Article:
Seems like a strange topic to write about twice, but despite how much I enjoyed the sand museum in Shimane, when most people think of sand in the San’in region, they’ll think of the Tottori Sand Dunes first. In fact, around the country when they think of sand dunes, Tottori will probably come up first–after all, they are Japan’s largest.

Why yes, that is a lot of sand. It’s been that way for over 100,000 years, but due to governmental intervention they’ve shrunk a bit this past century. In a new form of governmental intervention, they’re trying to reverse that to save a popular tourism spot.

Located just north of Tottori City, Tottori Prefecture’s capital, it is also very close to Hakuto Beach, where the White Hare of Inaba was said to have arrived on the mainland.

Rather than hares, however, you’re more likely to see camels.

They’re there for rides, of course, but the weather was cool so my friend and I decided to forego ride and walk. For the lazy who don’t feel like riding directly on an animal, there are also horse carriage rides to and from the best view points. For the more adventurous people, there are is a seasonal sand boarding course (I’d have been most interested in this!), hang gliding, and paragliding.

Of course, if you need a cheap thrill, you could always run down the dunes.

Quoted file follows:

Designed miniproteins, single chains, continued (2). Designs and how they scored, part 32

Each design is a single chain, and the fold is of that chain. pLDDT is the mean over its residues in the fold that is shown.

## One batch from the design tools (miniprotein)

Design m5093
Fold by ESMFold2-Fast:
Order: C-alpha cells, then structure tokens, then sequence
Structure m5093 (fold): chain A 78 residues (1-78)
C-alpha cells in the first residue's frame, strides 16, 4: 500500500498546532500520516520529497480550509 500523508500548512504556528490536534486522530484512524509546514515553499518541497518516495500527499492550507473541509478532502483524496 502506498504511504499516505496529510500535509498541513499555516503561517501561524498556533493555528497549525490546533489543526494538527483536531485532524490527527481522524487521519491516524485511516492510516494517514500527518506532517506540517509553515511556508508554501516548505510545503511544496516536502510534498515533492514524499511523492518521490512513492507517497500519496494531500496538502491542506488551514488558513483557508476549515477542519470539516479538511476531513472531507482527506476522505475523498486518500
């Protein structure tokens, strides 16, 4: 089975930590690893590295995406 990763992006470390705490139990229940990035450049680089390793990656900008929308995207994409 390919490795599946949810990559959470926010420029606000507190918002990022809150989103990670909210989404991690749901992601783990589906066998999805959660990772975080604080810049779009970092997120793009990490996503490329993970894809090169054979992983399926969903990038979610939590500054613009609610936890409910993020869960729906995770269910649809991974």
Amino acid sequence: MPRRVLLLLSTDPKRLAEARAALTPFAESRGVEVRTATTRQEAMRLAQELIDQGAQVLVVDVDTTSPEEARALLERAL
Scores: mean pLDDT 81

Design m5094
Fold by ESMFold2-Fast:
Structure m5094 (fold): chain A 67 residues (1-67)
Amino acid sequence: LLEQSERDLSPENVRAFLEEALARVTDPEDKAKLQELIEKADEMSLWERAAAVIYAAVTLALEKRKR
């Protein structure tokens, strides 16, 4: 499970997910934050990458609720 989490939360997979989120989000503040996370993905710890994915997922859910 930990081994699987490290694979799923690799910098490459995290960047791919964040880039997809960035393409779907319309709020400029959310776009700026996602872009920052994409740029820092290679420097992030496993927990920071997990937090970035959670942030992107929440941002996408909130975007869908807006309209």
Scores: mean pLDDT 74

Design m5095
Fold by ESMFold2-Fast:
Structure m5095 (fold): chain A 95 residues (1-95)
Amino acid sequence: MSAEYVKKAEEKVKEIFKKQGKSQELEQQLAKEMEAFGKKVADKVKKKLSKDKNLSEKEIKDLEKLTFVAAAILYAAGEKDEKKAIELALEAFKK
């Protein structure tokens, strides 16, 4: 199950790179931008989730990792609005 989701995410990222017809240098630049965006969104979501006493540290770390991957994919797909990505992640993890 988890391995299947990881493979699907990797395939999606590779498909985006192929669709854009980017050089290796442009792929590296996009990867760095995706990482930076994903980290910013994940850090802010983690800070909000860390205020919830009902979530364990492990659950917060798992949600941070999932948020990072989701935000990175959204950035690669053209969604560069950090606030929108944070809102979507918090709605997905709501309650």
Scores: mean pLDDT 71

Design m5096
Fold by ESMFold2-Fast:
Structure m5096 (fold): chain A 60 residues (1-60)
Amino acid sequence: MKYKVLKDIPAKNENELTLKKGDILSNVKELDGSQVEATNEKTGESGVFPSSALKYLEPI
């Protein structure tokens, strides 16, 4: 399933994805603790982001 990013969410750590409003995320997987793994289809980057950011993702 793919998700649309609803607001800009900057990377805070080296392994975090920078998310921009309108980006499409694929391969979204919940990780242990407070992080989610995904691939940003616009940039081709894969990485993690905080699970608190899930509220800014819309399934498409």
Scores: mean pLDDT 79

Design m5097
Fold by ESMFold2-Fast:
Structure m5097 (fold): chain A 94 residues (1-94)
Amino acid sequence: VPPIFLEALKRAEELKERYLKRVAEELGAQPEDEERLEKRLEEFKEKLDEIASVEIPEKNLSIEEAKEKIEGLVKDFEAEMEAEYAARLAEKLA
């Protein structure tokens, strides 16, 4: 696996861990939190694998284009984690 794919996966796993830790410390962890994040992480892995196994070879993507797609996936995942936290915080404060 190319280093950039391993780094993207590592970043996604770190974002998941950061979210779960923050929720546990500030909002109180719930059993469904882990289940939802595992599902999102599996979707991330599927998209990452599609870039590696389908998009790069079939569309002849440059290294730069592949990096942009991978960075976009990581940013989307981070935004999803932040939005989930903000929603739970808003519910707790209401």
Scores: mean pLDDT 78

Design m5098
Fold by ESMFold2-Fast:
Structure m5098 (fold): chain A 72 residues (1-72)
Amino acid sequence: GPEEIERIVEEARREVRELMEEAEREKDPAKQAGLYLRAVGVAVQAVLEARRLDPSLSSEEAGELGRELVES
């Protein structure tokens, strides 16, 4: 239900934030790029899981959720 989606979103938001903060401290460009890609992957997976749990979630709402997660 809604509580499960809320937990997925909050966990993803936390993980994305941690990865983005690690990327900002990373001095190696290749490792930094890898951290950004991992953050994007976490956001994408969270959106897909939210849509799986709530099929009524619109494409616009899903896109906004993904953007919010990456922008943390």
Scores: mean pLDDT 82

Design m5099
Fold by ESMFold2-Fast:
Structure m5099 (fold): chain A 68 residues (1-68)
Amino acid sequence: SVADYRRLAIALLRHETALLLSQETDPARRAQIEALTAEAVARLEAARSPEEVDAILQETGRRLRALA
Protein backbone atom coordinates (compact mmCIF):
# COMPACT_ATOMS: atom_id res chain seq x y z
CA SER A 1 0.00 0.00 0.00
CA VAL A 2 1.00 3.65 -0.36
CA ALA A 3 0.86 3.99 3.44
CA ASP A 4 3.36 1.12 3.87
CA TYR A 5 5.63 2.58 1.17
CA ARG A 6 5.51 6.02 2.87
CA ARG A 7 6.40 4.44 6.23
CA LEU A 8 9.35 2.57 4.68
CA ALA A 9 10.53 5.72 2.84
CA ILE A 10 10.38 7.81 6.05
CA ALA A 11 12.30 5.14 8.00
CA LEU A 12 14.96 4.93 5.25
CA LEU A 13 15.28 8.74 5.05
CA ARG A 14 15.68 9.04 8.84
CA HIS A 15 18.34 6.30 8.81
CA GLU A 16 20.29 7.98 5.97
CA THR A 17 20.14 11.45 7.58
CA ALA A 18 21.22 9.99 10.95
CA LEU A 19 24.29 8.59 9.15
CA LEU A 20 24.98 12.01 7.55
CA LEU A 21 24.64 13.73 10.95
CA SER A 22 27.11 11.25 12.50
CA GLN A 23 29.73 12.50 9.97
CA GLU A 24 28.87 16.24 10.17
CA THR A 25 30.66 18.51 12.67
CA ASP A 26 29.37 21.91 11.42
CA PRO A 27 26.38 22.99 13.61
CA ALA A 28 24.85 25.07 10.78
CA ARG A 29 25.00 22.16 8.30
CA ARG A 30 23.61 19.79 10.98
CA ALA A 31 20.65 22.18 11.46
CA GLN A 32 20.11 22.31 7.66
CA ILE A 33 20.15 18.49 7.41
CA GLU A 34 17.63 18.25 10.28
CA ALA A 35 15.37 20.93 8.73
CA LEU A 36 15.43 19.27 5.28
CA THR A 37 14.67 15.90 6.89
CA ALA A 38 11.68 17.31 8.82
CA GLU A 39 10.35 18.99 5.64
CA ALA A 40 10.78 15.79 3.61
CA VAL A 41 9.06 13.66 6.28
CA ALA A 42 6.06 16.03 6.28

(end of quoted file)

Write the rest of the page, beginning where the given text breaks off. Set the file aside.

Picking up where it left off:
As for the way up, however, it’d be difficult to go quite as fast.







With all that sand, you’re going to attract more than just thrill seekers–you’re going to attract sand artists. In fact, The Sand Museum right across from the street from the dunes attracts an international team of artists every year for its “Traveling Around the World in Sand” sculpture exhibits. Each year, they focus on the history and culture of a different part of the world.

Previous exhibitions

The theme for 2014 (running until January 4, 2015) is Russia, and they had a team of 20 artists from 11 countries coming together to creature 21 Russia-themed scupltures, all but one of which are kept indoors to control the climate and lighting.

Lighting is very important with sand sculptures, as the shadows are what show the details. Hence, I didn’t take many photos–it wouldn’t be like seeing them in real life anyway, and I’d have to take blurry shots without flash in order to see anything. As you can see, the lighting source makes a big difference:

With flash


Without flash

With Tchaikovsky playing in the background, it was nice to stroll around, read the bilingual captions for each piece, and enjoy all the different angles, both high and low.



I think is my favorite face among all the sculptures.

My friend and I enjoyed a breezy day here and chilled out at a sand-dune themed cafe near JR Tottori station, but maybe next year I’ll go back to see a new exhibition and be a little more adventurous out on the sand. There’s also more singing sand to find nearby at Idegahama Beach! Not to mention a large collection of onsen… next time, Tottori! Next time!

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